Test ResultsUpdated on Nov. 24
Part of the Workshop rules was a requirement that teams had to publicly share their test results, which is a key part of the collaborative and educational process. During the Workshop, each team presented their test data to the 50 attendees who had the opportunity to discuss the results and give feedback to the team. Unlike EPA test, which starts when the stove is already hot, we used a warm start, capturing some start-up emissions, we used cordwood instead of crib wood and we used higher moisture content wood. Note: any gram per hour (g/h) references in the below test results are not comparable to g/h values from EPA test labs because we did not follow the Method 28 test protocol.
1. MF Fire, the Mulciber. Powerpoint link.
2. The Kleiss stove. Powerpoint link.
3. Wittus Twinfire, Powerpoint link.
4. The VcV, PDF link.
5. Catalus Ventus, PDF link.
Team Presentations about their Stoves
Each team presented the concepts and technologies in the stoves. For a brief technical overview of all the stoves with contact info for the Teams, click here.
1. The Mulciber (powerpoint)
2. The Wittus Twinfire (pdf)
3. The VcV (pdf)
4. The Catalus Ventus (pdf)
5. Kliess (powerpoint)
During the Workshop, there were a series of expert presentations and webinars about automation, traditional stove technology, public health implications, air quality, regulatory issues and other relevant topics.
1. Dr. Tom Butcher, Brookhaven National Lab, Review of the Automated Stove Test Protocol (powerpoint)
2. Webinar with the five teams, hosted by BTEC.
3. Glenn Miller, Fairbanks Air District, Technology Improvements vs. Behavior Modification (powerpoint)
4. Ellen Burkhard, NYSERDA, Renewable Heat New York (powerpoint)
5. Norbert Senf, MHA, Emission Testing of Masonry Heaters (powerpoint)
6. Gael Ulrich, Smoke Particle Formation Fundamental, (pdf)
7. Peter Cullen, Wohler SM 5000 (powerpoint)
8. Phil Swartzendruber, Puget Sound Wood Stove Retrofit Open Challenge (pdf)
Feedback Survey: Results of a 10 question feedback survey about the Workshop by teams, participants and organizers.
Photos: Day 1
|Ivana Sirovica, Jessica Peterson and Jeff Hallowell, from ClearStak Brookhaven National Laboratory.|
|Rebecca raking coal bed to prepare for the next load of fuel.|
|Thanks to John Pilger and Chimney Safety Institute of America and Olympia Chimney for donating pipe and installation!|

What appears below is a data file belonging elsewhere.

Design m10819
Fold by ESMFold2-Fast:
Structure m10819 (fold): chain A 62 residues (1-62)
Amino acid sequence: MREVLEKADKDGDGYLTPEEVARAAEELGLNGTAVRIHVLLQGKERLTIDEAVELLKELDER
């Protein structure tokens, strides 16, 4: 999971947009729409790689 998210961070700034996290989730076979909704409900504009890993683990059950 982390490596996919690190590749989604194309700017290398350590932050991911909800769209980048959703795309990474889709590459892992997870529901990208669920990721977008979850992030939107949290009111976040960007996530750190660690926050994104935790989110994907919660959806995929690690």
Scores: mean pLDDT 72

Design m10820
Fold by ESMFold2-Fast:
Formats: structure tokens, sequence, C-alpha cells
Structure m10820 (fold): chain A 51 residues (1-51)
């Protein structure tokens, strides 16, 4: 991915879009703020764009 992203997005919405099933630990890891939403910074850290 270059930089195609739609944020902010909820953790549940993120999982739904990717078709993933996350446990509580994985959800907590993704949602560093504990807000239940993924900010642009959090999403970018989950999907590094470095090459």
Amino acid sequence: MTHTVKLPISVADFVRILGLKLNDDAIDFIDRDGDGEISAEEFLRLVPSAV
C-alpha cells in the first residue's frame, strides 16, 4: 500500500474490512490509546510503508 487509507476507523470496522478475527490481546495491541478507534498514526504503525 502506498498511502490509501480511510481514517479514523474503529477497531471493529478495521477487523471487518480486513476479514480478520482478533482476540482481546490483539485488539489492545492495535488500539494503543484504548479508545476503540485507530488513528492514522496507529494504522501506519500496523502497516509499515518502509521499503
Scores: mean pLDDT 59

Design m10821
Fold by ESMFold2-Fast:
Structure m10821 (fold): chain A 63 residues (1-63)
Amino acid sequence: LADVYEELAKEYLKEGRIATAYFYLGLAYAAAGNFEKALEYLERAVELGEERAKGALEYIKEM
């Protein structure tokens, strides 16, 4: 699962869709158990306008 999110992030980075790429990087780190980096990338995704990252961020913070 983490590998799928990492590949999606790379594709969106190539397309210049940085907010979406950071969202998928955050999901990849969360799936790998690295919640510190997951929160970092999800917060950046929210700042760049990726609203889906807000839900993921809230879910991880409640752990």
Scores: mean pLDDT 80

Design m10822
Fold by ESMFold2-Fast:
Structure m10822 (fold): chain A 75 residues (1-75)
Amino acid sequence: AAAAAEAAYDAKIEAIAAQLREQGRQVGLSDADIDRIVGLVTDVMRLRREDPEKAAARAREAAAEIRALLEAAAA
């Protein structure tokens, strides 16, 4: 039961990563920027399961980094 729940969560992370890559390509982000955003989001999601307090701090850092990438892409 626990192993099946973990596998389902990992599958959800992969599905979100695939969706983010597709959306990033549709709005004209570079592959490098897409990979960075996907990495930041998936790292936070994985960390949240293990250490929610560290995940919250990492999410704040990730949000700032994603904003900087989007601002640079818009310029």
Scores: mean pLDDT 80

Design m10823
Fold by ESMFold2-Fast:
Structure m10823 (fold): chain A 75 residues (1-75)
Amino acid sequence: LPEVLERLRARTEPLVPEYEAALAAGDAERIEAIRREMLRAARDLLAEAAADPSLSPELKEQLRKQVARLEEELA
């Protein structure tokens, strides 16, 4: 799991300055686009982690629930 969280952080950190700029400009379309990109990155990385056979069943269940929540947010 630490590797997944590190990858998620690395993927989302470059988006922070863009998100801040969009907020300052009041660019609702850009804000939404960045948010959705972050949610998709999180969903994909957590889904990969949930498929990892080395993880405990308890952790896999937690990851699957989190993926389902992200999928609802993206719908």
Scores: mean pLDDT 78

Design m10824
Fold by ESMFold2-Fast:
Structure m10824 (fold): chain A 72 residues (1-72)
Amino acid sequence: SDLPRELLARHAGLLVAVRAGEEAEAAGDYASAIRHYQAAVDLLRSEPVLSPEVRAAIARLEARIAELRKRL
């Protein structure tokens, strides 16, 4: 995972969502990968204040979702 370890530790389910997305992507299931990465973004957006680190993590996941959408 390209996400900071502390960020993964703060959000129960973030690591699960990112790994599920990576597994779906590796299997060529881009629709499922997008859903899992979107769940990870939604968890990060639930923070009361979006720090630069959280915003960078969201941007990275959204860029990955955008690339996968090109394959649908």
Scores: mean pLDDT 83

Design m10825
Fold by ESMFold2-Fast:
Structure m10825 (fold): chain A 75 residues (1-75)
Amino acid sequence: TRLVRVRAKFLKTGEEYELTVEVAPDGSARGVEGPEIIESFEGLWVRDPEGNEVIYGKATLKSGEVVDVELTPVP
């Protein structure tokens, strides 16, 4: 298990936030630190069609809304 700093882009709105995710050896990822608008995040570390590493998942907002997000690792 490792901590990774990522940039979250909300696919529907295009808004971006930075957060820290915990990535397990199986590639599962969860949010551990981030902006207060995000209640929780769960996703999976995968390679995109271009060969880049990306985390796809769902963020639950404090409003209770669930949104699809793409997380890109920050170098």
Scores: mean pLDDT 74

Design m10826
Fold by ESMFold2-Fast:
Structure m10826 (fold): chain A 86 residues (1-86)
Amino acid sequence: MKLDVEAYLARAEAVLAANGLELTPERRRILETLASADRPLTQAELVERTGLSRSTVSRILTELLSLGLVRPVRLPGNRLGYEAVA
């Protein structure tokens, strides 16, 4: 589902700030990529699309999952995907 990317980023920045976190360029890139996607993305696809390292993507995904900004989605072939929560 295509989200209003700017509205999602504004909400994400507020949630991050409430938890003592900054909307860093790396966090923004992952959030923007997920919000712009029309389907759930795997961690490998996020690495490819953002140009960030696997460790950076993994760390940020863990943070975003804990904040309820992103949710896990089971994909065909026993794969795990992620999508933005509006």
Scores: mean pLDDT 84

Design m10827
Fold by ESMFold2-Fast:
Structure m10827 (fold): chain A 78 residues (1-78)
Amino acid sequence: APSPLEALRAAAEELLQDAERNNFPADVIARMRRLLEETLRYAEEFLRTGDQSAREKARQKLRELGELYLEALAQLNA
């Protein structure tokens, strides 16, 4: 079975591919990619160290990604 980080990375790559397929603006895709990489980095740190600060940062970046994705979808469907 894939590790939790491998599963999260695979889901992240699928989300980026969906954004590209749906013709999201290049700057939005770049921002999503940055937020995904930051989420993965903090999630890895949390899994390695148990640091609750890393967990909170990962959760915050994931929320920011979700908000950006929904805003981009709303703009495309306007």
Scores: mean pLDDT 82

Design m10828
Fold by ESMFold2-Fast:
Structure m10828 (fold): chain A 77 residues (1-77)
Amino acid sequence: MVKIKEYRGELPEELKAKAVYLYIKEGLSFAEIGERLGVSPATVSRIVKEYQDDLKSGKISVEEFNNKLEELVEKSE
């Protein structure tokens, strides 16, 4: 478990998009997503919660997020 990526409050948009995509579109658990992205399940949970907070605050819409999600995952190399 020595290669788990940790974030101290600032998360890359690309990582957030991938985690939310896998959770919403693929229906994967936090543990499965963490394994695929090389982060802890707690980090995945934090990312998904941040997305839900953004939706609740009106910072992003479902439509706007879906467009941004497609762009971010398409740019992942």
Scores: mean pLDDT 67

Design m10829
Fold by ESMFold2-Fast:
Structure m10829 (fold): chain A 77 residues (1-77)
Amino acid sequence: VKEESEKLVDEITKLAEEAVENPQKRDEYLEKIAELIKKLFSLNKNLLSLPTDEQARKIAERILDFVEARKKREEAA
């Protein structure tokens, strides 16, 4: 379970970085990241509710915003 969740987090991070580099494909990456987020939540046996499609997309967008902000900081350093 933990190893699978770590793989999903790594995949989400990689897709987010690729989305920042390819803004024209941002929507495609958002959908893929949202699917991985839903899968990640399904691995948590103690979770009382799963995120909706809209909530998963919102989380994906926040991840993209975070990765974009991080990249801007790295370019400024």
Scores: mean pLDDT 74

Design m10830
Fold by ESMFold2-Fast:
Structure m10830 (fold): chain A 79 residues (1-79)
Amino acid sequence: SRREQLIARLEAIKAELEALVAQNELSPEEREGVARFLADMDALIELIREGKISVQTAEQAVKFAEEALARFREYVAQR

|Indigo Hotel in Riverhead NY - our base for the week|
|The Testo shows real time emissions, with top line showing particulate matter (PM)|
|Rebecca Trojanowski removes filters. The dark circle in foreground are the particulates on a filter from the test burn that will be weighed to determine grams per hour.|
|Even the kindling is carefully weighed so that each stove gets the same warm up rick.|
From the left to right - Ellen Burkhard from NYSERDA, Lisa Rector from NESCAUM, Amanda Aldridge from EPA and Mark Knaebe from US Forest Service.
We spent hours in this room, having different presentations every hour, with lots of discussion and debate. Here, Ben Myren is presenting the testing results of the VcV stove.
Brian Gauld of New Zealand, John Pilger of CSIA and Jeff Hallowell of ClearStak.
Team Wittus Twinfire
Gregory Elliiot and Peter Cullen from Wohler, and John Pilger from Chimney Safety Institute of America.
We managed to find a BYOB restaurant which led to more red wine consumption. From left - Rod Tinnemore, Dave Misiuk, Amanda Aldridge, John Ackerly, Norbert Senf, Ellen Burkhard and LIsa Rector.
The Catalus Ventus shows incredible hot catalyst temps compared to the both the stack and the firebox. This was during start up, when it was emitting maximum smoke, but between the catalyst, the fabric filter, virtually no smoke came out the stack.
Ivana Sirovica, a Research Fellow from Alliance for Green Heat, and Ben Myren, as Ben finished the final test of the week.
Tom Butcher using the Wohler particulate analyzer on the VcV stove. Because we used wood that was often above 25% moisture content, we had to deal with more moisture in our testing instruments.
Underneath the VcV stove is where the magic happens, and mechanical valves automatically close or open the primary or secondary air, depending on what the stove needs to maintain a clean and efficient burn. THis stove maintained a steady low burn rate with beautiful swirling flames in the upper part of the chamber.
Ben Myren shows how his thermocouples could read the temperature in 10 spots of the stove at all times. The top of the flue could be 250, when the air entering the catalyst was nearly 800, and 1300 in the firebox.
Brian Gauld, the owner of the VcV travelled from New Zealand, where there is also demand for automation that can improve stove performance far more than stoves are likely to perform when operated manually.
Dr. Phil Hopke of Clarkson University and Mattian Woll of Testo.
Our cord wood was kiln dried and then shrink wrapped so it would maintain a constant moisture content. The wood was far wetter, on average, than wood used in EPA test certifications, which helped us assess how these automated stoves could perform with higher moisture content wood.
Preparation of kindling for the tests.
George Wei and Yussef were two of Brookhavens talented technicians. Both have worked on improving oil combustion systems, outdoor wood boilers and stoves.
The last stove is taken out, and demonstrates the challenge of testing the same day as removing stoves that are still hot!